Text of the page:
Britain’s electricity system operator will pay households to use less power during early Monday evening and has also put three emergency coal-fired power units on standby as large parts of the country are gripped by freezing weather.
National Grid said on Sunday that it would activate a new service introduced this winter, through which households and businesses are paid to reduce their consumption during crunch times when the electricity grid comes under strain.
The so-called “demand flexibility service” will be activated between 5pm and 6pm on Monday, National Grid said, warning that its forecasts “show electricity supply margins are expected to be tighter than normal on Monday evening”.
If activated, it would mark the first time the new service has been used in a “live” situation, although National Grid has tested it multiple times with participating suppliers, including Octopus Energy, Centrica and Eon. Households with smart meters have been able sign up to the service if their supplier is taking part.
The electricity system operator has also asked two coal-fired units at the giant Drax power station in Yorkshire, plus a third at the West Burton plant in Nottinghamshire, to warm up in case they too are required to help meet demand on Monday, when wind speeds are also forecast to be low.
All three coal units had originally been due to close permanently in September last year but have negotiated contracts with National Grid to remain on standby for emergency use this winter at the request of the UK government.
Both the coal plant extensions and the demand flexibility service are part of the government’s contingency plans for possible energy shortages, which were drawn up after Russia’s full-scale invasion of Ukraine triggered fears of possible blackouts across Europe.
National Grid insisted on Sunday evening that the measures did not mean there would be power cuts but said they could be used to increase the cushion between electricity supplies and demand to a more comfortable level.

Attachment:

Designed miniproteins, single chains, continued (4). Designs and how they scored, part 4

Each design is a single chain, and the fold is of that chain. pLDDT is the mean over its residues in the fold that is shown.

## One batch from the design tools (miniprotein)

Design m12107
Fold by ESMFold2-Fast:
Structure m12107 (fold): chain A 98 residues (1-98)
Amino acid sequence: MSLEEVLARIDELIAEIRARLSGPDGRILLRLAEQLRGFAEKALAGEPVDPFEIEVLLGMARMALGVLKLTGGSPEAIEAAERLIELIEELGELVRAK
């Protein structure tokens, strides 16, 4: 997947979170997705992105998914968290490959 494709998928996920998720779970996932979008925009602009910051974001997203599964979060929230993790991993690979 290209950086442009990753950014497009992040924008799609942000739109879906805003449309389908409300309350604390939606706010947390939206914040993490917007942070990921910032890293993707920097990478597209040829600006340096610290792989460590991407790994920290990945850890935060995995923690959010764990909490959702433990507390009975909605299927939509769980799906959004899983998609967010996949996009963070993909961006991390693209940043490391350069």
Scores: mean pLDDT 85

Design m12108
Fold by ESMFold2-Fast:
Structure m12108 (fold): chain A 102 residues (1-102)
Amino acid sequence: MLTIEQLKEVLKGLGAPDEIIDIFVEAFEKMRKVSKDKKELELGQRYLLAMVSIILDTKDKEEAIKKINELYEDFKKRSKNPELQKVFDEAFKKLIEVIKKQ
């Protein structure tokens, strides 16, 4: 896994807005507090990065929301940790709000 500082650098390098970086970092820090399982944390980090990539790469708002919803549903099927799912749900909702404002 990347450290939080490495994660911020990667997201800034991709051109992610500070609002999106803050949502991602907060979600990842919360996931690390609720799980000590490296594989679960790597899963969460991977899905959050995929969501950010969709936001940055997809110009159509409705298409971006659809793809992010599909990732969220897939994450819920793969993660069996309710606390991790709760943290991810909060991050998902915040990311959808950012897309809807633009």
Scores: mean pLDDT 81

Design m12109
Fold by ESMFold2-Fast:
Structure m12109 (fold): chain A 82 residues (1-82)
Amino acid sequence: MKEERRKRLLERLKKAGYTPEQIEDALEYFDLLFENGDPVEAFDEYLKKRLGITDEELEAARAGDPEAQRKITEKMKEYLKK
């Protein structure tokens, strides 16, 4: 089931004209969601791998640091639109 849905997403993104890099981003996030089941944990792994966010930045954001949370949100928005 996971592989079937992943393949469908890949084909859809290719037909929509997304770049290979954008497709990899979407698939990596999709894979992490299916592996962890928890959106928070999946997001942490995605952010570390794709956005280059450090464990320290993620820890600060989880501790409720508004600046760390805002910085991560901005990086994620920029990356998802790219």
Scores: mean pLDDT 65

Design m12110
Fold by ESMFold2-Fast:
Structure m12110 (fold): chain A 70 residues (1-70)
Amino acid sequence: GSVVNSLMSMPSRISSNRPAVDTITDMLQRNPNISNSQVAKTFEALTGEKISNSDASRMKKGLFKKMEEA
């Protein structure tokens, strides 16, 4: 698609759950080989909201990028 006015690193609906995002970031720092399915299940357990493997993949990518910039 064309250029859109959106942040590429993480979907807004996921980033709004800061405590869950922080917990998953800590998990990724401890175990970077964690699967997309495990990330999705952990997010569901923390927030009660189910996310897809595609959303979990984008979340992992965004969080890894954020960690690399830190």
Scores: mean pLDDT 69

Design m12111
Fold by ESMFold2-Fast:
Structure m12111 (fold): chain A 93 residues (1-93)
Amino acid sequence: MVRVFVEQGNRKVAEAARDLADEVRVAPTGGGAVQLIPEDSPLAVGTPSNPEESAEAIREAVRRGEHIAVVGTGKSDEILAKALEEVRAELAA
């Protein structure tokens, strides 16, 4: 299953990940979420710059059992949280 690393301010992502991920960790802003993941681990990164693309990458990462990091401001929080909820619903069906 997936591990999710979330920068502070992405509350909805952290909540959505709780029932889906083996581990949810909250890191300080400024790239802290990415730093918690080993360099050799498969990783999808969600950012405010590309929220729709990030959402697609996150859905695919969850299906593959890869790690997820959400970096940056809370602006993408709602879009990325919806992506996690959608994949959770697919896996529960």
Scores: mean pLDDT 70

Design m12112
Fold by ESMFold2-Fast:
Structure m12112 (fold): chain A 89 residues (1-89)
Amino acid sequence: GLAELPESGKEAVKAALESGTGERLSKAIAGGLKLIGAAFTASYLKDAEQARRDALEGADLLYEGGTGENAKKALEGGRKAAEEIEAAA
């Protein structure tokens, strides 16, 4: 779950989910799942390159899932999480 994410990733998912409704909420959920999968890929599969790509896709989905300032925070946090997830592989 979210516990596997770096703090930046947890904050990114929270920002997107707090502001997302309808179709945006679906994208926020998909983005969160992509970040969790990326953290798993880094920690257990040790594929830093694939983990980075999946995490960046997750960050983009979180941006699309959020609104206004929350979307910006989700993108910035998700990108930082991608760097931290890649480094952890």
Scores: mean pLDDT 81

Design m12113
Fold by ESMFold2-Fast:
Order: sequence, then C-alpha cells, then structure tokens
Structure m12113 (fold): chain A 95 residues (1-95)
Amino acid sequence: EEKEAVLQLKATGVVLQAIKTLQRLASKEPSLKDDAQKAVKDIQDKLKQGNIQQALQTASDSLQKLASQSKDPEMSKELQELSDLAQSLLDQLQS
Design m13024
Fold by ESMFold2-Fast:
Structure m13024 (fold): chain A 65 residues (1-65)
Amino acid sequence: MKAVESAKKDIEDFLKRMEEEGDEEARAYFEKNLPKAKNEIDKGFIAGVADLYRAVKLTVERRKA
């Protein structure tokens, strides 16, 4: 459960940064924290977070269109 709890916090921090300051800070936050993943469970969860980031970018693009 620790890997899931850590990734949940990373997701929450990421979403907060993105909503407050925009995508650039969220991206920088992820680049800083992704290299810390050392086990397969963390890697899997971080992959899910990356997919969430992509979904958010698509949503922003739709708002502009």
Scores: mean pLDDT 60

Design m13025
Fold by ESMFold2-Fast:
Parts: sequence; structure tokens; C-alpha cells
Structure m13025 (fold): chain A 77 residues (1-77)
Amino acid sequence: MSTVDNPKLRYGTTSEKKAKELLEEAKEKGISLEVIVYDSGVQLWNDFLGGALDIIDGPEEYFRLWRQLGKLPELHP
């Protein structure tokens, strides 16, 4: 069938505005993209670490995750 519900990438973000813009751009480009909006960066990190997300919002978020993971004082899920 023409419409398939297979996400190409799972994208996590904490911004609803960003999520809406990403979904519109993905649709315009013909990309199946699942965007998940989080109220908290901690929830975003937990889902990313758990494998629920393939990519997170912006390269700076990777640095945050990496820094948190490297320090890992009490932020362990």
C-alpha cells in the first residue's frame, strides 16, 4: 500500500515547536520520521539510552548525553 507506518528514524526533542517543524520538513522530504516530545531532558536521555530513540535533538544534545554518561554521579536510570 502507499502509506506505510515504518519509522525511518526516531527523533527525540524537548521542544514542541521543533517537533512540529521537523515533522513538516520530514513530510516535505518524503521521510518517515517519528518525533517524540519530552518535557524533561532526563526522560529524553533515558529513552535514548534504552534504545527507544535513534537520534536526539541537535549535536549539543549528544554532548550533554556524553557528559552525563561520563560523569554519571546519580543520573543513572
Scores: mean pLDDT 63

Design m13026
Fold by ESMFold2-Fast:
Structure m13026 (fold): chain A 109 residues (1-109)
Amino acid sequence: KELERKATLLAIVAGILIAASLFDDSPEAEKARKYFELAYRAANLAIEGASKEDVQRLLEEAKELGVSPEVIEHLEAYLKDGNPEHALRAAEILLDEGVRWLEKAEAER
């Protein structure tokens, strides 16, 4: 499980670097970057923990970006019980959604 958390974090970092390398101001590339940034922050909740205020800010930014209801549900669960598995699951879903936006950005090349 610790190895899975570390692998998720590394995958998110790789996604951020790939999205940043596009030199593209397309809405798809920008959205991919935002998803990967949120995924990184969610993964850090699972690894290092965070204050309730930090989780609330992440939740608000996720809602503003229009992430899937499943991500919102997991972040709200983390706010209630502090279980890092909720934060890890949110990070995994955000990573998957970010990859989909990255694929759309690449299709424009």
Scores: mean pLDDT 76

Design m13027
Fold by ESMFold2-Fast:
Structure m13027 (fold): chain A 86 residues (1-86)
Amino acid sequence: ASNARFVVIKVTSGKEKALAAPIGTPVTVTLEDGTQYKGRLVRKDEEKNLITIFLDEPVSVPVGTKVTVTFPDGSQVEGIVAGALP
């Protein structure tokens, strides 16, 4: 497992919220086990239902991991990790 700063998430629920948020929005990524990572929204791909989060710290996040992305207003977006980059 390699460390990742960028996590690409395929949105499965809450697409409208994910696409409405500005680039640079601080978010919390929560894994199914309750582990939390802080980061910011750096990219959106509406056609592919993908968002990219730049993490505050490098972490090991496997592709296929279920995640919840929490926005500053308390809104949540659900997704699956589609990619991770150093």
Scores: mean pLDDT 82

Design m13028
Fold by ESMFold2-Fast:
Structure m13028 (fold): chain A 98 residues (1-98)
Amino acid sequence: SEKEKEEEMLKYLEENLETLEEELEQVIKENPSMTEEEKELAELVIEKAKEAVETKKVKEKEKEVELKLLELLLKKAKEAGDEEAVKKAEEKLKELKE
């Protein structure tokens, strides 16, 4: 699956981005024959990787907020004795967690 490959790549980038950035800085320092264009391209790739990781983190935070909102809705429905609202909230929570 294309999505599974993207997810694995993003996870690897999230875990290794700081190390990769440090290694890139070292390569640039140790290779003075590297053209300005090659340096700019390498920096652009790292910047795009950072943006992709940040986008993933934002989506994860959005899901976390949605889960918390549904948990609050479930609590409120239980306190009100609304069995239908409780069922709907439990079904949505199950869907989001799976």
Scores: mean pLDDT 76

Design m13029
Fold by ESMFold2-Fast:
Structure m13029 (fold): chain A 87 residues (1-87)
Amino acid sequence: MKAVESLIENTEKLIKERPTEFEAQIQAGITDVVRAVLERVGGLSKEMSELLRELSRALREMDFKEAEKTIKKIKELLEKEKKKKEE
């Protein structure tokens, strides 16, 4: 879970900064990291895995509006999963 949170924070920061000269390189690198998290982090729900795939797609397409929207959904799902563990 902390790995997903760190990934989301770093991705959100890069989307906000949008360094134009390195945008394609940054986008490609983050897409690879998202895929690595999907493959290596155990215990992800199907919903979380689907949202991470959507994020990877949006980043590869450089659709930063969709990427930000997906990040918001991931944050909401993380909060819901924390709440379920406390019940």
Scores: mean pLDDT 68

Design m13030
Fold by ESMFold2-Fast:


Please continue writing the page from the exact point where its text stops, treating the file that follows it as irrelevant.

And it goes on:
“This does not mean electricity supplies are at risk and people should not be worried,” National Grid ESO, the part of the FTSE 100 energy group that oversees Britain’s electricity system, said. “These are precautionary measures to maintain the buffer of spare capacity we need.”
Energy consultancy EnAppSys said power prices for peak hours on Monday indicated tight margins between supply and demand but they were “not as bad as previous days this winter when [National Grid ESO] chose not to dispatch contingency coal plants”. It added in a tweet that the decision to warm the coal-fired units showed an “abundance of caution” on National Grid’s behalf.
The Met Office has warned that southern, eastern and central England will continue to experience very cold temperatures on Monday and it has issued a weather warning for freezing fog earlier in the day, which could cause travel disruption including possible flight cancellations.
National Grid in December put some emergency-use coal units on alert during a previous cold snap, only to stand them down when it managed to secure sufficient supplies. It also did the same with the demand flexibility service in November.
Traders had recently been more optimistic that Europe would be able to survive the winter without blackouts after unseasonably warm weather over the festive season and early in the new year allowed countries in the EU to generally refill their gas storage facilities rather than withdraw from them. This is also relevant to Britain as it traditionally relies on electricity and gas imports from the continent during particularly cold periods.